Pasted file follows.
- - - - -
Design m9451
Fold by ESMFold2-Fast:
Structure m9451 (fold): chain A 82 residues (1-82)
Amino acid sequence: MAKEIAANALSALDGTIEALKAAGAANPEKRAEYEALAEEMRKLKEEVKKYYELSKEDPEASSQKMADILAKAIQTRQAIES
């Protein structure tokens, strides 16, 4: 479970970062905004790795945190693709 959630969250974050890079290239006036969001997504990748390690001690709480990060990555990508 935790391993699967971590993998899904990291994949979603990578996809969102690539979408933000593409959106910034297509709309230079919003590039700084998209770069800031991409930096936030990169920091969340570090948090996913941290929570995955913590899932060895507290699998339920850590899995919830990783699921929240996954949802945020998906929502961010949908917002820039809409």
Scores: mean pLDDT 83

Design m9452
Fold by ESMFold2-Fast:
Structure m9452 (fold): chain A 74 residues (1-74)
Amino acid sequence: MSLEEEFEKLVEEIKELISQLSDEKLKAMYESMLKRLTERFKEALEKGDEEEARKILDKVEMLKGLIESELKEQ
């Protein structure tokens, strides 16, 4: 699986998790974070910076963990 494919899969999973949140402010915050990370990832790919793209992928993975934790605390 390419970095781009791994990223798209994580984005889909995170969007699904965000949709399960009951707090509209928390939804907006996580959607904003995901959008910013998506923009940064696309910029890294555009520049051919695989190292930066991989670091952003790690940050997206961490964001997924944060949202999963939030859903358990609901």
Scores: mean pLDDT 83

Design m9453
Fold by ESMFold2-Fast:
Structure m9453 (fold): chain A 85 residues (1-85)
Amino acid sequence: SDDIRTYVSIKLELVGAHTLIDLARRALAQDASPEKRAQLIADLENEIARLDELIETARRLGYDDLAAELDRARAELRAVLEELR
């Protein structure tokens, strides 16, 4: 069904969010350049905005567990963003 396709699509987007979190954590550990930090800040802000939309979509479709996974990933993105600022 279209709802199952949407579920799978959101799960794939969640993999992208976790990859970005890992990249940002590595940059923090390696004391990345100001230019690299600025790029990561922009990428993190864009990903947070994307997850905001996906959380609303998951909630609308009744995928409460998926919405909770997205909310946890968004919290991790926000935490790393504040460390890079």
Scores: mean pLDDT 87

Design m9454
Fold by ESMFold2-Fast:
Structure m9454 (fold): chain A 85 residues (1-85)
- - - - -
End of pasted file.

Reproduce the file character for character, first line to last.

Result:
Design m9451
Fold by ESMFold2-Fast:
Structure m9451 (fold): chain A 82 residues (1-82)
Amino acid sequence: MAKEIAANALSALDGTIEALKAAGAANPEKRAEYEALAEEMRKLKEEVKKYYELSKEDPEASSQKMADILAKAIQTRQAIES
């Protein structure tokens, strides 16, 4: 479970970062905004790795945190693709 959630969250974050890079290239006036969001997504990748390690001690709480990060990555990508 935790391993699967971590993998899904990291994949979603990578996809969102690539979408933000593409959106910034297509709309230079919003590039700084998209770069800031991409930096936030990169920091969340570090948090996913941290929570995955913590899932060895507290699998339920850590899995919830990783699921929240996954949802945020998906929502961010949908917002820039809409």
Scores: mean pLDDT 83

Design m9452
Fold by ESMFold2-Fast:
Structure m9452 (fold): chain A 74 residues (1-74)
Amino acid sequence: MSLEEEFEKLVEEIKELISQLSDEKLKAMYESMLKRLTERFKEALEKGDEEEARKILDKVEMLKGLIESELKEQ
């Protein structure tokens, strides 16, 4: 699986998790974070910076963990 494919899969999973949140402010915050990370990832790919793209992928993975934790605390 390419970095781009791994990223798209994580984005889909995170969007699904965000949709399960009951707090509209928390939804907006996580959607904003995901959008910013998506923009940064696309910029890294555009520049051919695989190292930066991989670091952003790690940050997206961490964001997924944060949202999963939030859903358990609901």
Scores: mean pLDDT 83

Design m9453
Fold by ESMFold2-Fast:
Structure m9453 (fold): chain A 85 residues (1-85)
Amino acid sequence: SDDIRTYVSIKLELVGAHTLIDLARRALAQDASPEKRAQLIADLENEIARLDELIETARRLGYDDLAAELDRARAELRAVLEELR
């Protein structure tokens, strides 16, 4: 069904969010350049905005567990963003 396709699509987007979190954590550990930090800040802000939309979509479709996974990933993105600022 279209709802199952949407579920799978959101799960794939969640993999992208976790990859970005890992990249940002590595940059923090390696004391990345100001230019690299600025790029990561922009990428993190864009990903947070994307997850905001996906959380609303998951909630609308009744995928409460998926919405909770997205909310946890968004919290991790926000935490790393504040460390890079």
Scores: mean pLDDT 87

Design m9454
Fold by ESMFold2-Fast:
Structure m9454 (fold): chain A 85 residues (1-85)